1. Underland by Robert Macfarlane

What's it about? "The way into the underworld is through the riven trunk of an old ash tree" starts Macfarlane's extraordinary adventure into the worlds beneath our feet. From the invisible city underneath the pavements of Paris, to the laboratory half a mile below the Yorkshire Moors seeking the universe’s hidden secrets, there is so much to explore, celebrate and learn from each labyrinth. Rob Macfarlane's ability to capture the beauty and mystique of a place is interwoven with the human story of how we have interacted and been inspired by the underworld from day one; stories that are as jaw-dropping and surprising as any work of fiction. And although I still have no desire to physically descend into any of these hidden lands, I will be delving into this book for many years to come.

My favourite quote. "Into the underland we have long placed that which we fear and wish to lose, and that which we love and wish to save."

My three word review. Evocative, enlightening, alarming.

Sarah, Website team
 

2. Lowborn by Kerry Hudson

What's it about? Grappling with the guilt of moving on from poverty – and indeed with the idea that one can truly move on from childhood trauma – this memoir from novelist Kerry Hudson doesn’t just expose an uncomfortable and outrageous inequality that too many of us choose to look away from, but also beautifully articulates the painful process of excavating a buried past. Many a politician would do well to read this book and confront the exhaustion of living a life filled from the start with roadblocks.

My three word review. "It was time to turn around, face my past and fears, and simply accept that walking backwards might just cause some broken bones."

My three word review. Bruising, authentic, generous.

Zainab, Campaigns team 

3. Cari Mora by Thomas Harris

What's it about? I confess; I have not read Thomas Harris’ previous books (although I am a huge fan of the films). But you do not need any knowledge of the infamous Hannibal Lecter’s misdeeds to enjoy this book. After escaping her life as a child soldier of the FARC, Cari Mora is now living in Miami working odd jobs to survive. One being the housekeeper of Pablo Escobar’s former mansion which hides $25m of cartel gold, of which, human trafficker/organ harvester/body modifier Hans-Peter Schneider has his eye on… What I loved most about this standalone tale is the mixture of unsavoury and unscrupulous characters, all harbouring their own disturbing desires. Not sure what that says about me! But if you enjoy a dark and grisly story, you’ll struggle to put this down.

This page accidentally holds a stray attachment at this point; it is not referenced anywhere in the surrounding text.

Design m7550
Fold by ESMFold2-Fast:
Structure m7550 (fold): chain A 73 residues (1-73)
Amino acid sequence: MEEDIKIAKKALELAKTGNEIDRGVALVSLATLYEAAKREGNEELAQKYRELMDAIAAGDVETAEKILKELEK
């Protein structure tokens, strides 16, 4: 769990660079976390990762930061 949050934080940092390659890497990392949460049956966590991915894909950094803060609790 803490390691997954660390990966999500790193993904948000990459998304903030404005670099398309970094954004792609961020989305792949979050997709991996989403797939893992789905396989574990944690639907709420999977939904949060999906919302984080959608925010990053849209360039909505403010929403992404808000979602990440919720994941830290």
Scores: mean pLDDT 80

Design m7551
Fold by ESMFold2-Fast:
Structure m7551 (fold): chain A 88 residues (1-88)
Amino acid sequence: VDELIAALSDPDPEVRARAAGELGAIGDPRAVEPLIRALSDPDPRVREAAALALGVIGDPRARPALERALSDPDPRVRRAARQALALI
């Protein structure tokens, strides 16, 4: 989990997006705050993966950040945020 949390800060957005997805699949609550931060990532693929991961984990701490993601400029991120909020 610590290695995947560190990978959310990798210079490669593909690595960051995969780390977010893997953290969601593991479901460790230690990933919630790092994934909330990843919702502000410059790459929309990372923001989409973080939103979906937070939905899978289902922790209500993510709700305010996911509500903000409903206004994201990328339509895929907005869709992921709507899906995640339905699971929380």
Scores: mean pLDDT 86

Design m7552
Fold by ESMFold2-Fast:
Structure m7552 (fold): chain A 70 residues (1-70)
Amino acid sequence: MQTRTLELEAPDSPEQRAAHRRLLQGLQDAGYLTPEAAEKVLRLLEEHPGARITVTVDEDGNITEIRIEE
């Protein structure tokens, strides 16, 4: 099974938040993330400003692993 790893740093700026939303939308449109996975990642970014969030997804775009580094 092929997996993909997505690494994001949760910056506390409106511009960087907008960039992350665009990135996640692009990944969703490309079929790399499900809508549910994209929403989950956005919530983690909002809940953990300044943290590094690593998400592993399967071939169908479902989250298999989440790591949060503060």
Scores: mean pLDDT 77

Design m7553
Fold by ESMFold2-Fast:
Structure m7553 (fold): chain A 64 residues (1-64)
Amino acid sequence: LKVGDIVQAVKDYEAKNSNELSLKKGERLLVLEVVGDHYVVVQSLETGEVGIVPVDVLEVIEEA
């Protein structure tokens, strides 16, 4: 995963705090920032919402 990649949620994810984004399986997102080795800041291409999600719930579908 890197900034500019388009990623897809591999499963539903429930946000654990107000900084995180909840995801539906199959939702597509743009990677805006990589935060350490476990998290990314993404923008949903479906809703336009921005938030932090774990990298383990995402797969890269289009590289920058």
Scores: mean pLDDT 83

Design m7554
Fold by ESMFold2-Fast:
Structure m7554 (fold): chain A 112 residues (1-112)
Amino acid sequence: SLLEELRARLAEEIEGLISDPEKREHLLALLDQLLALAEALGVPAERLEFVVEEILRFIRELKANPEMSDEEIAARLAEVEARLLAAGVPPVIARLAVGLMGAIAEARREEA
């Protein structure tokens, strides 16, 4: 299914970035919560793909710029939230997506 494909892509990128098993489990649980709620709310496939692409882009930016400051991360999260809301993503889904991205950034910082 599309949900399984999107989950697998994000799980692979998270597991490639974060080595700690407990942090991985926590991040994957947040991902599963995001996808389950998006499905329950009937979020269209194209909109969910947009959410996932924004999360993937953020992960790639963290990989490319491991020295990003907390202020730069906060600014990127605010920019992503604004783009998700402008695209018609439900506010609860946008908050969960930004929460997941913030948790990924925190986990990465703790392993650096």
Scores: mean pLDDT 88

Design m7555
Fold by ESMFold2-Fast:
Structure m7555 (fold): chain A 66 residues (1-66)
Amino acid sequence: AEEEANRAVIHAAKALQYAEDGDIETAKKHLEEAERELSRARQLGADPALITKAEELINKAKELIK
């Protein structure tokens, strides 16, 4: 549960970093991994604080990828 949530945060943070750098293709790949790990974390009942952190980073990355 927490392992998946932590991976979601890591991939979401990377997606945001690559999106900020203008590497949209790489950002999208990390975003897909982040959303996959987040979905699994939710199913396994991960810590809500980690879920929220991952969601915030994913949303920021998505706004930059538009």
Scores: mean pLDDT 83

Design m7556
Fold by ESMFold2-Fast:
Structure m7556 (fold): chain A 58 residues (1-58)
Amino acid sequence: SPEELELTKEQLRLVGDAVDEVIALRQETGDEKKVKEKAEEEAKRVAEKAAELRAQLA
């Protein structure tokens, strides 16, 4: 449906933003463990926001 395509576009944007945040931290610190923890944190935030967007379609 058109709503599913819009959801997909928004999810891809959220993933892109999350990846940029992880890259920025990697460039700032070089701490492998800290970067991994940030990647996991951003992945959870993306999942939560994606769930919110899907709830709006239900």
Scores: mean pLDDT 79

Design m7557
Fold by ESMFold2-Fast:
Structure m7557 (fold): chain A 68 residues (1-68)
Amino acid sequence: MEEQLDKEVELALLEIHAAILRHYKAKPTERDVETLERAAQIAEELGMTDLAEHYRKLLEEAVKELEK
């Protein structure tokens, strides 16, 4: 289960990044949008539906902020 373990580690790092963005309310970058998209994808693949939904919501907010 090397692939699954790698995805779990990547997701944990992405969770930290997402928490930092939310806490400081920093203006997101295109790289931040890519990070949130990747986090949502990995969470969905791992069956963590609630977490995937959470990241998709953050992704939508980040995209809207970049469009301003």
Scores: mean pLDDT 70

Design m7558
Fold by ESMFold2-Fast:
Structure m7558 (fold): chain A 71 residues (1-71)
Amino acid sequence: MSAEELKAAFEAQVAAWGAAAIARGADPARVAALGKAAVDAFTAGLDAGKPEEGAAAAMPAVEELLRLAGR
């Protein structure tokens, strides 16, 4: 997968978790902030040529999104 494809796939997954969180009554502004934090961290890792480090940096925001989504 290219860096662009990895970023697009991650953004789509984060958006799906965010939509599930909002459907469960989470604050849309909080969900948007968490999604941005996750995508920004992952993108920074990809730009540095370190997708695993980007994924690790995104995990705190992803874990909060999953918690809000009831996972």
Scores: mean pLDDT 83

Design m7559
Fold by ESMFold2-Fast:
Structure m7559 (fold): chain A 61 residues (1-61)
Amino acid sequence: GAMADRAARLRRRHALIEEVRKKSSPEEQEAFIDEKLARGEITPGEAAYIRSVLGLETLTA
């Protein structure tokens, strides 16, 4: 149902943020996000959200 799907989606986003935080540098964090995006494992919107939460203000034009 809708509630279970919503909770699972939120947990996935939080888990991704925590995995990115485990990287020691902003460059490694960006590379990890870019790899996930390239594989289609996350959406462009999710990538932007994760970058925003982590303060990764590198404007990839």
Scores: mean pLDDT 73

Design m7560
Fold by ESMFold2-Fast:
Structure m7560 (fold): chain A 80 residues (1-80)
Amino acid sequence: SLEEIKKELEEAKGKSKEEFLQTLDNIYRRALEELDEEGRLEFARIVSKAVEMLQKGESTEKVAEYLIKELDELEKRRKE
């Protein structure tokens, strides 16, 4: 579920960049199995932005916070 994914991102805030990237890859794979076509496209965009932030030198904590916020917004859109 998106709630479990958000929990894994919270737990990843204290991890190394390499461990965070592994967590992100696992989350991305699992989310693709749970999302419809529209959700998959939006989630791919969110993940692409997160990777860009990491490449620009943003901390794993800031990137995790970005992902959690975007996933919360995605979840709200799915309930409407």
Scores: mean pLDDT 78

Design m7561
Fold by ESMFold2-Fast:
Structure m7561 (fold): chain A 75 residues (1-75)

My favourite quote. "She had asked him to stop. She prayed repeatedly for God to make him stop. This was a regular item in her evening prayers. He did not stop."

My three word review. Unsettling, gory, suspenseful.

Imogen, Website team
 

4. Furious Hours by Casey Cep

What's it about? In Alabama, 1972, Reverend Willie Maxwell was accused of murdering five of his family members before he himself was shot dead. Years later, Harper Lee started work on a true crime novel about the case, but she never could finish it. Furious Hours is as much an assiduously crafted work of true crime, as it is about the slippery task of crime reporting and what that does to a writer who refuses to belie the facts. This book is perfect for those wanting to delve deeper into Lee's work, whose scrupulous investigation on what was to become Truman Capote’s In Cold Blood, along with her fraught relationship with writing despite the huge success of To Kill A Mockingbird, can be found on these pages in satisfying detail.

My favourite quote. “Violence has a way of destroying everything but itself. A murdered person’s name always threatens to become synonymous with her murder; a murdered person’s death always threatens to eclipse her life.”

My three word review. Microscopic, macarbre, magnificent.

Grace, Audience team
 

5. The Porpoise by Mark Haddon

What's it about? Within the first few pages we are thrust into dramatic circumstances – a baby is the sole survivor of a horrific plane crash, saved from the womb of her dying and heavily pregnant mother. Growing up in affluent isolation with her overbearing father, the plot truly begins when a suitor visits and uncovers a menacing secret. Forced to run for his life, he boards The Porpoise ship with pursuers after him, kicking off a hazardous adventure. A modern retelling of ancient Greek statesman Pericles, Haddon’s novel grips you from the first chapter and is not shy in documenting human adversaries. Readers looking to be captivated by sharp turns, look no further.

My favourite quote. "They strike the side of a grain silo. They are travelling at seventy miles per hour."

My three word review.  Gripping, intrepid, deft.

Hannah, Website team
 

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